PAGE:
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A PRINCIPAL COMPONENT ANALYSIS-BASED APPROACH FOR THE ONGOING COMMISSIONING OF CENTRIFUGAL CHILLERS N. Cotrufo; R. Zmeureanu Department of Building, Civil and Environmental Engineering, Centre for Zero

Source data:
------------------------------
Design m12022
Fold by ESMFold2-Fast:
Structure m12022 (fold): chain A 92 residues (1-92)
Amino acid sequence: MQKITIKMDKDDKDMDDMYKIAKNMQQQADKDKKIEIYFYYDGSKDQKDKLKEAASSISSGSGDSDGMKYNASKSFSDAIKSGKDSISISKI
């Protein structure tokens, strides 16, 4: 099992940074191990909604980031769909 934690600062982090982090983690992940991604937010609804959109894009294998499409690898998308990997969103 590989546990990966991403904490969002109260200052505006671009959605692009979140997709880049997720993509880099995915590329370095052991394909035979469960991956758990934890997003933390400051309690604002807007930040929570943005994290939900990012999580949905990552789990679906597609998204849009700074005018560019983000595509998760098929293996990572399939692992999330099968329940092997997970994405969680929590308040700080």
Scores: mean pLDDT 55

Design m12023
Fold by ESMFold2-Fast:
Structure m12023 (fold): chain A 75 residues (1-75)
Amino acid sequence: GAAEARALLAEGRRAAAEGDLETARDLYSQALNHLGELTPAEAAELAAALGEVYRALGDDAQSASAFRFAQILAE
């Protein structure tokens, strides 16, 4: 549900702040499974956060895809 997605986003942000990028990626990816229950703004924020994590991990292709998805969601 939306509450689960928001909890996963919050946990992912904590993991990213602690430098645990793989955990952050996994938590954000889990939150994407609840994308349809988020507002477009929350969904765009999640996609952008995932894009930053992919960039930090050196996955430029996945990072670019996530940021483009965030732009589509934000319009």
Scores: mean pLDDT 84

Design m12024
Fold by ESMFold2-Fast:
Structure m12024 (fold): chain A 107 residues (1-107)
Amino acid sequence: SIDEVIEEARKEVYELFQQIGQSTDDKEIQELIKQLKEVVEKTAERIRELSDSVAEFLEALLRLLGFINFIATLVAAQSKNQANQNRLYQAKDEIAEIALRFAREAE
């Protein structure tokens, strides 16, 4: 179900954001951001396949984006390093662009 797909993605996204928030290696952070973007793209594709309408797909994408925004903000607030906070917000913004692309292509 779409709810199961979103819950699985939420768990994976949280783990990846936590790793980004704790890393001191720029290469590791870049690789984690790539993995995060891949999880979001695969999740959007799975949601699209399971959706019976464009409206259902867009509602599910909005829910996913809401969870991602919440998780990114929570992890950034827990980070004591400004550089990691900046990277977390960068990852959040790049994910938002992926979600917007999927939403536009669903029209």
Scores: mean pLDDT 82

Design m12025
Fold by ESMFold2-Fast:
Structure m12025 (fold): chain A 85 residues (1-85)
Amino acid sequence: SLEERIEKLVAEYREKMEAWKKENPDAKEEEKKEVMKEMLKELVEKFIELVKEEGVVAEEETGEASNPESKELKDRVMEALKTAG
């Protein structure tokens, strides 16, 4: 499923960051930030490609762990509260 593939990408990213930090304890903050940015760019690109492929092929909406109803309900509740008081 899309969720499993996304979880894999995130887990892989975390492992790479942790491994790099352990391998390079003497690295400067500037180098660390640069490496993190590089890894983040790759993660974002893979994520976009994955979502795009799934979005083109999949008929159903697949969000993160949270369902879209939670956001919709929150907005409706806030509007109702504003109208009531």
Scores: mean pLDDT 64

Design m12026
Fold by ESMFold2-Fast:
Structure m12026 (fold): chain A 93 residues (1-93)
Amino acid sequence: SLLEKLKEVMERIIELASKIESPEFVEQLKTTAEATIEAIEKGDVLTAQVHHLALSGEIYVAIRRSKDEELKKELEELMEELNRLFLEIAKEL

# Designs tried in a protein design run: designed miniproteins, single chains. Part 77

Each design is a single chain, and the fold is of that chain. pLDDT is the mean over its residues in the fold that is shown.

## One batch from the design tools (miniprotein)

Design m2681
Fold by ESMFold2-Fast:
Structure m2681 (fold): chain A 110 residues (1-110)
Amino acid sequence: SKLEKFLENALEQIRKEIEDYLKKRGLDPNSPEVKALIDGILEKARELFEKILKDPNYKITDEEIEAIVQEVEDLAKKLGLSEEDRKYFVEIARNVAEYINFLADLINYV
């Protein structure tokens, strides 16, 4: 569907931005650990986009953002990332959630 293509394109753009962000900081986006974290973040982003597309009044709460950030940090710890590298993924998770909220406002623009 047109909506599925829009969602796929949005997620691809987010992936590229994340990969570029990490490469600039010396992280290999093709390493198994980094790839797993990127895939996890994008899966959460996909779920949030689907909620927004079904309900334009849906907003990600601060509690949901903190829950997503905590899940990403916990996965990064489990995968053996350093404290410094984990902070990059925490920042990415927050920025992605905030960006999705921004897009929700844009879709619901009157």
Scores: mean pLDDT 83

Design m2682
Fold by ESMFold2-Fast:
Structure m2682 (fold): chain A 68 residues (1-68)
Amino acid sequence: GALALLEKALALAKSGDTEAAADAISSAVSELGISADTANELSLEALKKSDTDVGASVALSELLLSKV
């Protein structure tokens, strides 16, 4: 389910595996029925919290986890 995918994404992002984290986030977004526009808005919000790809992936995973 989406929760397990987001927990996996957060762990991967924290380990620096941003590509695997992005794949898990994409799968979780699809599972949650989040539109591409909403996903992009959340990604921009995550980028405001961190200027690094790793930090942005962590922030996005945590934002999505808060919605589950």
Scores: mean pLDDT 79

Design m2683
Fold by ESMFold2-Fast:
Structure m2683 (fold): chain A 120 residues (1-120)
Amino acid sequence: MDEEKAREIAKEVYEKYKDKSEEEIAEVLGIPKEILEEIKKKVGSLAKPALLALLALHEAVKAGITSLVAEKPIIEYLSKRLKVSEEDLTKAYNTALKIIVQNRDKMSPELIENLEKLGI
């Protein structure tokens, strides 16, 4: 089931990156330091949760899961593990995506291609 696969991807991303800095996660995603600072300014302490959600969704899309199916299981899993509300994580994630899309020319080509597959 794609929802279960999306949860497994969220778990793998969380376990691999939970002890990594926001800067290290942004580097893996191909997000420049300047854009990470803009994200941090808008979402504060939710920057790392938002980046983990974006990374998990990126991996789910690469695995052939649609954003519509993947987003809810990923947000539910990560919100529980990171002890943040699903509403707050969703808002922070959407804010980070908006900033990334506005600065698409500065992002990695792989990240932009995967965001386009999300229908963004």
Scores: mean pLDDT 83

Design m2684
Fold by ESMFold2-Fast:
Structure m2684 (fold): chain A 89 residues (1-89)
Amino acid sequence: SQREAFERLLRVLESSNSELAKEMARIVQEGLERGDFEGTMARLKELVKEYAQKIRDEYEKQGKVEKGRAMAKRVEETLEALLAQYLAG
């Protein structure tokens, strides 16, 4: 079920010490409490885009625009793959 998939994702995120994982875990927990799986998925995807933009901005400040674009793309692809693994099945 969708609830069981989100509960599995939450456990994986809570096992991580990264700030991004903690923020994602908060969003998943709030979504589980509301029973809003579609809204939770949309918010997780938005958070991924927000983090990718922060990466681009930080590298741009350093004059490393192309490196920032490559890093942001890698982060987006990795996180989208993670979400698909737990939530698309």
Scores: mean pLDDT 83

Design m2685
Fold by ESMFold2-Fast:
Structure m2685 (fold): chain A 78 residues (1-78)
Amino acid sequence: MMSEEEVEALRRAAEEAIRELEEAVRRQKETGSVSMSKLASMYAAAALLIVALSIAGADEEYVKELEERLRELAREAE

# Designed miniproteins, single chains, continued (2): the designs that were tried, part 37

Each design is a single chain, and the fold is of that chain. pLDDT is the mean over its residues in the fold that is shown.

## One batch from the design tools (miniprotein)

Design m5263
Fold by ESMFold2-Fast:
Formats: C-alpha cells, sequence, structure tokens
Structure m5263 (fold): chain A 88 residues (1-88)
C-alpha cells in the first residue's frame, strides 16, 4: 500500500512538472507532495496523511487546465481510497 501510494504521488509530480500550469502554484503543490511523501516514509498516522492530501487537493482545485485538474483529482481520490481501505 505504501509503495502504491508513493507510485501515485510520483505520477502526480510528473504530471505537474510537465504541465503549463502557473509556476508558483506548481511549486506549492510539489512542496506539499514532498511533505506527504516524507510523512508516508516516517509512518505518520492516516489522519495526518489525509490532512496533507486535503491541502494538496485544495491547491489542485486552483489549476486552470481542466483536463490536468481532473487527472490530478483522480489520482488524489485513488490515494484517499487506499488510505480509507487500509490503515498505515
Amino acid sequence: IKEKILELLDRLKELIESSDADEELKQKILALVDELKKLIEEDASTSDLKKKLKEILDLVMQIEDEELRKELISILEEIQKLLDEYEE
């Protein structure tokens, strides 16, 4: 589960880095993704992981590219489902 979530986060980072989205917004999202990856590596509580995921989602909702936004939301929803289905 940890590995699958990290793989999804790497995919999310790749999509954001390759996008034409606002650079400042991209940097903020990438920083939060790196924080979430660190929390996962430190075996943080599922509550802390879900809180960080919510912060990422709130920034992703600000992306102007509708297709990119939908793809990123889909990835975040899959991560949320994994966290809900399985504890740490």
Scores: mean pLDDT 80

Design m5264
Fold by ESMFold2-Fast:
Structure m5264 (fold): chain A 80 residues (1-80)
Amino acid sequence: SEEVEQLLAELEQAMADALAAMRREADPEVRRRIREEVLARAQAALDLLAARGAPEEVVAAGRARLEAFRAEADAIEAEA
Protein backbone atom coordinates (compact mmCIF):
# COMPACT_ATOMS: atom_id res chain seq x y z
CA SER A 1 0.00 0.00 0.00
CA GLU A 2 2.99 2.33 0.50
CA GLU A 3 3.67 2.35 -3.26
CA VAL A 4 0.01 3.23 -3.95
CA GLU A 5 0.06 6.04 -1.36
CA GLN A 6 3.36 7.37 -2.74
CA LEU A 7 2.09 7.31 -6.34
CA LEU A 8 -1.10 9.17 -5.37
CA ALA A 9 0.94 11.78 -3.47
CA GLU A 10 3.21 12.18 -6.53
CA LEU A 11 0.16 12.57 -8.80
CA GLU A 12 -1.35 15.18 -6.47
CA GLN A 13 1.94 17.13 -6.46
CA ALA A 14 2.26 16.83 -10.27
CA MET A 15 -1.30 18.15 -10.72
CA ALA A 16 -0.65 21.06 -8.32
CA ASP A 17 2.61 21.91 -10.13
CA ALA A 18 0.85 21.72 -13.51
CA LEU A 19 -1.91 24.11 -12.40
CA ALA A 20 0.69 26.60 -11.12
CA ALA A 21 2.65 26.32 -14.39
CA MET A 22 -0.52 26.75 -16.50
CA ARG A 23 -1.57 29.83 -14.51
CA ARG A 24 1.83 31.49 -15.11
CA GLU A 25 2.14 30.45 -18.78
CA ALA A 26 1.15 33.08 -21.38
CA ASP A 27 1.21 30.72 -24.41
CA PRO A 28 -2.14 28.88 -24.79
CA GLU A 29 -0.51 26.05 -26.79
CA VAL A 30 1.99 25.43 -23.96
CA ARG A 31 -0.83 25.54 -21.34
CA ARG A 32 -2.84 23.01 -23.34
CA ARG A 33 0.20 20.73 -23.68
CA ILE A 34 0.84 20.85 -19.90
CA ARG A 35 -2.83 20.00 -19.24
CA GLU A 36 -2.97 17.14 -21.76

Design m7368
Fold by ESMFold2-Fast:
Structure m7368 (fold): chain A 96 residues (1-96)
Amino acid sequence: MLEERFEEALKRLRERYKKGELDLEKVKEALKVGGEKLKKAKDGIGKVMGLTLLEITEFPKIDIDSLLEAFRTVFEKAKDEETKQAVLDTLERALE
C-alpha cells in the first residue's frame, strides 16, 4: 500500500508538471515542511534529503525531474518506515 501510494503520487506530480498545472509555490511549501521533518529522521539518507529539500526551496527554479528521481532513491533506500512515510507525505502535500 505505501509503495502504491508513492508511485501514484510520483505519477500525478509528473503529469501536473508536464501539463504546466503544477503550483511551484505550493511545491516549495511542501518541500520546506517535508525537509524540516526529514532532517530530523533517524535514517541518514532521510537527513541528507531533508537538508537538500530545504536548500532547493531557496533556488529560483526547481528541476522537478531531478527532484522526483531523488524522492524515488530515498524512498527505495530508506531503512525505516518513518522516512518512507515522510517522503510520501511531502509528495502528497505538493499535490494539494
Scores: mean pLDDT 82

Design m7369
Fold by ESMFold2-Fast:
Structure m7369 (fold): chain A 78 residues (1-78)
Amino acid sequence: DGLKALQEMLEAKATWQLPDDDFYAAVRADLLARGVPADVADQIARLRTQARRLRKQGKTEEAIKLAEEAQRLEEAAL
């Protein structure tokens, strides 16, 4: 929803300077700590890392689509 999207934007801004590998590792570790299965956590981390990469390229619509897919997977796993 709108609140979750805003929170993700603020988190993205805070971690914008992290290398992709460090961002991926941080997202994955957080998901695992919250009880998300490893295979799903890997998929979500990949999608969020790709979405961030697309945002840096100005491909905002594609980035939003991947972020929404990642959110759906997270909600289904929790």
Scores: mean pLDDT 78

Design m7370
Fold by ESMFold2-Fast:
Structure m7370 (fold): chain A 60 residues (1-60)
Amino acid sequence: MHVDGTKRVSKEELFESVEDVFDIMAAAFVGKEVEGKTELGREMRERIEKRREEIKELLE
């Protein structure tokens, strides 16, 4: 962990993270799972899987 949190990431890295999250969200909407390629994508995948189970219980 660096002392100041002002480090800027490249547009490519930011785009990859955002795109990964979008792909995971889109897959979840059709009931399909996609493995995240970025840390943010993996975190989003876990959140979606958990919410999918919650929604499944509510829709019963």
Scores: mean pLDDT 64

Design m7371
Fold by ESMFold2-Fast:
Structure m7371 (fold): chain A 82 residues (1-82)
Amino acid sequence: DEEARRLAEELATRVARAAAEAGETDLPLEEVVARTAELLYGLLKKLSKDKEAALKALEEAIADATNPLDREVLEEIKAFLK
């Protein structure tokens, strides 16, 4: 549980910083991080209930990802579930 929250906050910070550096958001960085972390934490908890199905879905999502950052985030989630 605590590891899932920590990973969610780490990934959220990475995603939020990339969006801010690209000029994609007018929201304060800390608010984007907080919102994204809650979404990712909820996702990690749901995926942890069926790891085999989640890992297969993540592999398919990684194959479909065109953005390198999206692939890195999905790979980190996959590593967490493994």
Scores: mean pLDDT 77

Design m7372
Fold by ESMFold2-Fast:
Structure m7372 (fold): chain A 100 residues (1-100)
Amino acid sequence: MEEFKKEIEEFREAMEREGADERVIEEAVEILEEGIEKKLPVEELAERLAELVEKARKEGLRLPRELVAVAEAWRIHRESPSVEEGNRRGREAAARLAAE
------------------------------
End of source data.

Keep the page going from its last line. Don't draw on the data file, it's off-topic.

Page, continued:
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A PRINCIPAL COMPONENT ANALYSIS-BASED APPROACH FOR THE ONGOING COMMISSIONING OF CENTRIFUGAL CHILLERS N. Cotrufo; R. Zmeureanu Department of Building, Civil and Environmental Engineering, Centre for Zero Energy Building Studies, Concordia University, 1455 de Maisonneuve West, Montréal, Québec, Canada H3G 1M8 ABSTRACT Ongoing commissioning (OCx) of HVAC systems aims to continuously monitor and analyse the building systems operation to detect faults and performance degradation in terms of operation costs, energy use and demand as well as quality of indoor environment. A huge amount of relevant operation data are collected and stored by the Building Automated System (BAS). Hence the extraction of information through data mining is a challenging aspect. Anomaly detection, clustering, classification and regression analysis are examples of data mining techniques. Regression techniques are probably the most used to identify relationships between measured data, and between indices of performance and data. Artificial Neural Network (ANN) models and Support Vector Method (SVM) are other examples of statistical learning techniques. This paper presents the use of Principal Component Analysis (PCA) for the OCx of chillers in a large cooling plant. PCA allows to drastically reduce the number of variables, preserving most of the information included in the original data set. A PCA based commissioning approach has been applied in this study to highlight changes in chiller operation level through the years, detect unexpected measurement values and address commissioning effort to solve them. Measurements have been collected by the BAS from two centrifugal chillers, of 3165 kw (900 tons) cooling capacity each, over six cooling seasons (May to September, from 2009 to 2014). The Principal Components (PCs) visualization have allowed to identify different operation patterns, supporting clustering and classification techniques implementation. The effectiveness of PC visualization is due to the PCA capability to reduce the number of variables to be used as regressors, and to represent, in a 2-D PCbased space, a data set made of several inter-correlated variables. Visualization techniques are considered very important to increase awareness and knowledge of building operators about equipment operation. Keywords: Principal Component Analysis, Ongoing Commissioning, HVAC systems INTRODUCTION The use of Principal Component Analysis (PCA) for OCx of HVAC systems was not exploited enough in the recent past. PCA based detection and diagnosis methods have been developed for AHUs and AHU sensor faults, Wang and Xiao [1] and Li and Wen [2]. In [3] a PCA based linear regression model has been developed to predict electricity consumption in an office building. All the above cited studies highlight the PCA capability to reduce large number of variables to few new components while maintaining most of the information. In this paper, PCA is applied to the BAS trend data from a cooling plant to identify patterns, implement OCx and visualize variations in chiller operation performance over the years. METHOD PCA transformation, applied to a data set X of j inter-correlated variables and i observations, produces a new set F of j independent variables, the Principal Components (PCs), which contains the same original data set information. F elements (f i,j ), named scores, are the CISBAT September 9-11, Lausanne, Switzerland 407 coordinates of the original data along the PCs, and are given by linear combination (1) of the x i,j Original Variables (OVs) with the coefficient matrix Q, made of q j,j elements [4]. Q is evaluated by PCA transformation. f i,j = x i,1 q 1,j + x i,2 q 2,j + + x i,j-1 q j-1,j + x i,j q j,j (1) Dealing with variables of different units and range of variation, some sort of data normalization is needed [5]. Here, given a data set X = [i x j], of i observations and j variables, normalization goes through the average column values (m j ), and the j columns standard deviations (σ j ): zx i = x i m i σ i (2) Variables reduction results from the distribution of explained variance along the PCs (figure 1). The first 2-3 PCs account together for the most of the original data set variance. Chiller #2 operation data from 2010 to 2014 have been compared against a 2009 data based threshold. Data sets have been normalized (3), and projected into a 2-D PCs based space (4), with reference to 2009 data PCA transformation: zx 2010 = X 2010 mx i,2009 σx i,2009 (3) F 2010 = zx 2010 x Q 2009 (4) where: zx 2010 is the 2010 normalized data set; X 2010 is the original 2010 data set; mx i,2009 is the 2009 data set mean value vector; σx i,2009 is the 2009 data set standard deviation vector; F 2010 is the 2010 matrix of scores; Q 2009 is the 2009 matrix of PCA coefficients. An elliptical threshold condition has been formulated (5), based on the Gaussian approximation of scores distribution along PCs. Hence, around 95% of scores is expected to be within the interval [-2 σ pc ; 2 σ pc ] around the mean value. y b 2 (1 x2 a 2) ; a = 2 σ pc1 ; b = 2 σ pc2 (5) RESULTS This study focuses on a cooling plant installed in a University Campus in Montreal, QC. It consists of two centrifugal chillers (CH-1 and CH-2) of 3165 kw (900 tons) cooling capacity each. When one chiller is not sufficient to match the thermal load, the second one starts, working simultaneously with the first chiller. Chilled water is circulated by constant speed pumps of around 86.5 L/s [6]. The BAS collected measurements each 15 minutes. Data set includes 9,408 measurements per cooling season, over 14 weeks, for four different operation modes: a) both the chillers (CH-1 and CH-2) work at the same time; b) only CH-1 works; c) only CH-2 works; d) no chiller. We considered nine variables at plant level: chilled water flow rate from the central plant, ṁ chw ; difference of return supply chilled water temperature, ΔT CP ; electrical power input to CH-1 and CH-2, E CH-1 and E CH-2 ; water temperature difference CH 1 at the evaporator of CH-1 and CH-2, ΔT CHW and ΔT CH 2 CHW ; water temperature difference at CH 1 the condenser of CH-1 and CH-2, ΔT CND and ΔT CH 2 CND ; outdoor air temperature, T OA. A preliminary PCA based analysis has been conducted at plant level. Coefficient matrix Q with the projection coefficients for the first two PCs are given in (6). Equation (7) gives an example of i score calculation for PC # CISBAT September 9-11, Lausanne, Switzerland (6) f i,1 = x i, x i, x i,j-1 (-0.196) + x i,j (7) Figure 1 shows the cumulative original data set variance explained by PCs. The first two PCs account together for about 93% of the original data set information. Figure 2 shows the scores from 2009 data set represented in a 2-D PCs based space. It is worth to notice that PCA distinguishes different operation modes through well-defined point clouds, which can be useful to identify normal operation modes and detect abnormal situations. The case of CH-2 working alone have been considered for a PCA-based analysis. A threshold condition, developed based on 2009 data set, has been applied to data over six cooling seasons to highlight changes in CH-2 operation level. A separate five OVs list has been considered for chiller analysis: electrical power input, E CH-2 [kw]; outdoor air temperature, T OA [ºC]; CH 2 CH 2 difference of water temperature across the evaporator and condenser, ΔT CHW and ΔT CND [ºC]; chilled water flow rate, ṁ chw [L/s] (table 1). Figure 1: Cumulative variance explained by PCs, cooling plant data set from summer Figure 2: Cooling plant 2009 data set scores plotted in a 2-D PC based space. E CH-2 [kw] T OA [ C] ΔT CHW [ C] ΔT CND [ C] ṁ chw [L/s] Range of variation Mean value Standard deviation Table 1. Selected original variables of summer 2009 for the PCA of chiller CH-2 PC #1 and PC #2 together account for about 92% of information in the original CH-2 data set. In Figure 3 are represented the OV axes in a 2-D PC based space, given plotting the first two column of the coefficient matrix data scores for PC #1 and #2 are represented in Figure CISBAT September 9-11, Lausanne, Switzerland 409 4. Any interpretation of scores distribution should be based on OV axes orientation. Assuming a Gaussian distribution of scores along PC axes, around 95% of scores are expected to be within the range [-2 σ; 2 σ]. For PC #1, 97% of the scores is in the range [- 2 σ 1 ; 2 σ 1 ] while, for PC #2, 98% of the scores is within the range [-2 σ 2 ; 2 σ 2 ]. Figure 5 shows results from applying 2009 threshold condition to following cooling season data sets. Results are given in terms of percentage of data points per year, which comply with 2009 threshold. Over six years, the percentage of data points within the threshold decreases from 93.3% (2009) to 83.7% (2014). The annual mean values of the PC #1 and PC #2 through the years (Figure 6) moved from the origin, which could indicate the change of annual mean operation data. Figure 3. CH-2 OV axes projected on a 2-D principal component based space. Figure data sample plotted against the threshold in a 2-D PCs based space. Figure 5. Percentage of data points per year which comply with the 2009 based threshold condition. Figure 6. Variation of annual mean values of PC #1 and #2, 2009 to DISCUSSION The threshold condition can give information about quantitative aspects in operation changes. The trend of percentage of outliers per year highlights that some change in operation occurred (figure 5), although it is not necessary to be considered as degradation. We name this phase detection. Otherwise, in order to understand the causes of operation changes, we have to deal with the OV axes orientation (figure 3). The more a point is located far from the zero- 410 CISBAT September 9-11, Lausanne, Switzerland value of the j-variable axis, the more an unexpected j-variable value characterizes that point. For each outliers, the distance from the zero-value of each variable axis has been evaluated. Table 2 gives, for 2014 scores, the statistics of the most influential OV per outlier. Variables Count [-] Percent [%] 1 Electrical power input Outdoor air temperature Difference of water temperature across the evaporator Difference of water temperature across the condenser Chilled water flow rate after the two chillers Table 2. Frequency of the most influential original variables of 2014 data set Over 639 outliers have been detected for 2014 data set. According to table 2, the outdoor air temperature and the chilled water flow rate are the outliers most influential OVs. The outdoor air temperature is accountable for 97.2% of the outliers, while the remaining 2.8% are due to the chilled water flow rate. In this case, the commissioning efforts focus on those two OVs variables. A detailed investigation revealed that the outdoor air temperature measurements had fast and abnormal temperature variation within one time step (15 minutes). That was due to two elements: the difference in outdoor air temperature between 2009 and 2014, and the need for re-calibration and re-location of the air temperature sensor. PCA showed to be effective in the detection of abnormal values. Figure data set in a 2-D PC based space against the reference threshold. The axis of chilled water flow rate is showed. Figure modified data set in a 2-D PC based space against the reference threshold. The axis of chilled water flow rate is showed. The expected chilled water flow rate, for only one chiller works, is around 86.5 L/s. Several times during the summer of 2014, some isolated, unexpected values, have been recorded (figure 7). A test is simulated by excluding the unexpected chilled flow rate measurements from the data set. PCA applied to modified data set shows that ṁ chw is not anymore responsible for any of the remaining outliers (figure 8). Again, the PCA based approach correctly detected abnormal values and addressed efforts in the right direction. CISBAT September 9-11, Lausanne, Switzerland 411 CONCLUSION PCA has been used to study a cooling plant and its changes in performance through six consecutively summer seasons. A threshold definition has been given based on 2009 reference data set, and changes in the equipment performance have been highlighted in terms of outliers from the threshold, which is intended as representative of proper chiller operation. The proposed approach proved to effectively capture the variation in percentage of points which comply with the threshold condition, from 93.3 % in 2009 to 83.7 % in The chiller s performance seems to change, although the change is not qualified as a system degradation. Also, the proposed method allowed to identify the influential OVs for outliers in 2014, effectively addressing efforts to identify faults in chiller operation. The possibility to reduce to two principal components a bigger number of original variables allows to display 2-D representations of the equipment performance. This would increase building operator s awareness and knowledge in HVAC system operation. ACKNOWLEDGEMENT The authors acknowledge the support from the NSERC Smart Net Zero Energy Buildings Network and from the Faculty of Engineering and Computer Science, Concordia University, Montreal Canada. REFERENCES 1. Wang, S., & Xiao, F.: Detection and diagnosis of AHU sensor faults using principal component analysis method. Energy Conversion and Management, 45(17), , 2004; 2. Li, S., & Wen, J.: A model-based fault detection and diagnostic methodology based on PCA method and wavelet transform. Energy and Buildings, 68, 63-71, 2014; 3. Lam, J. C., Wan, K. K., Cheung, K., & Yang, L.: Principal component analysis of electricity use in office buildings. Energy and Buildings, 40(5), , 2008; 4. Abdi, H., & Williams, L. J.: Principal component analysis. Wiley Interdisciplinary Reviews: Computational Statistics, 2(4), , 2010; 5. Reddy, T. A.: Applied data analysis and modeling for energy engineers and scientists Springer Science & Business Media, 2011; 6. Monfet, D.: New Ongoing Commissioning Approach of Central Plants: Methodology and Case Study, PhD Thesis, Concordia University, Montreal, QC, CISBAT September 9-11, Lausanne, Switzerland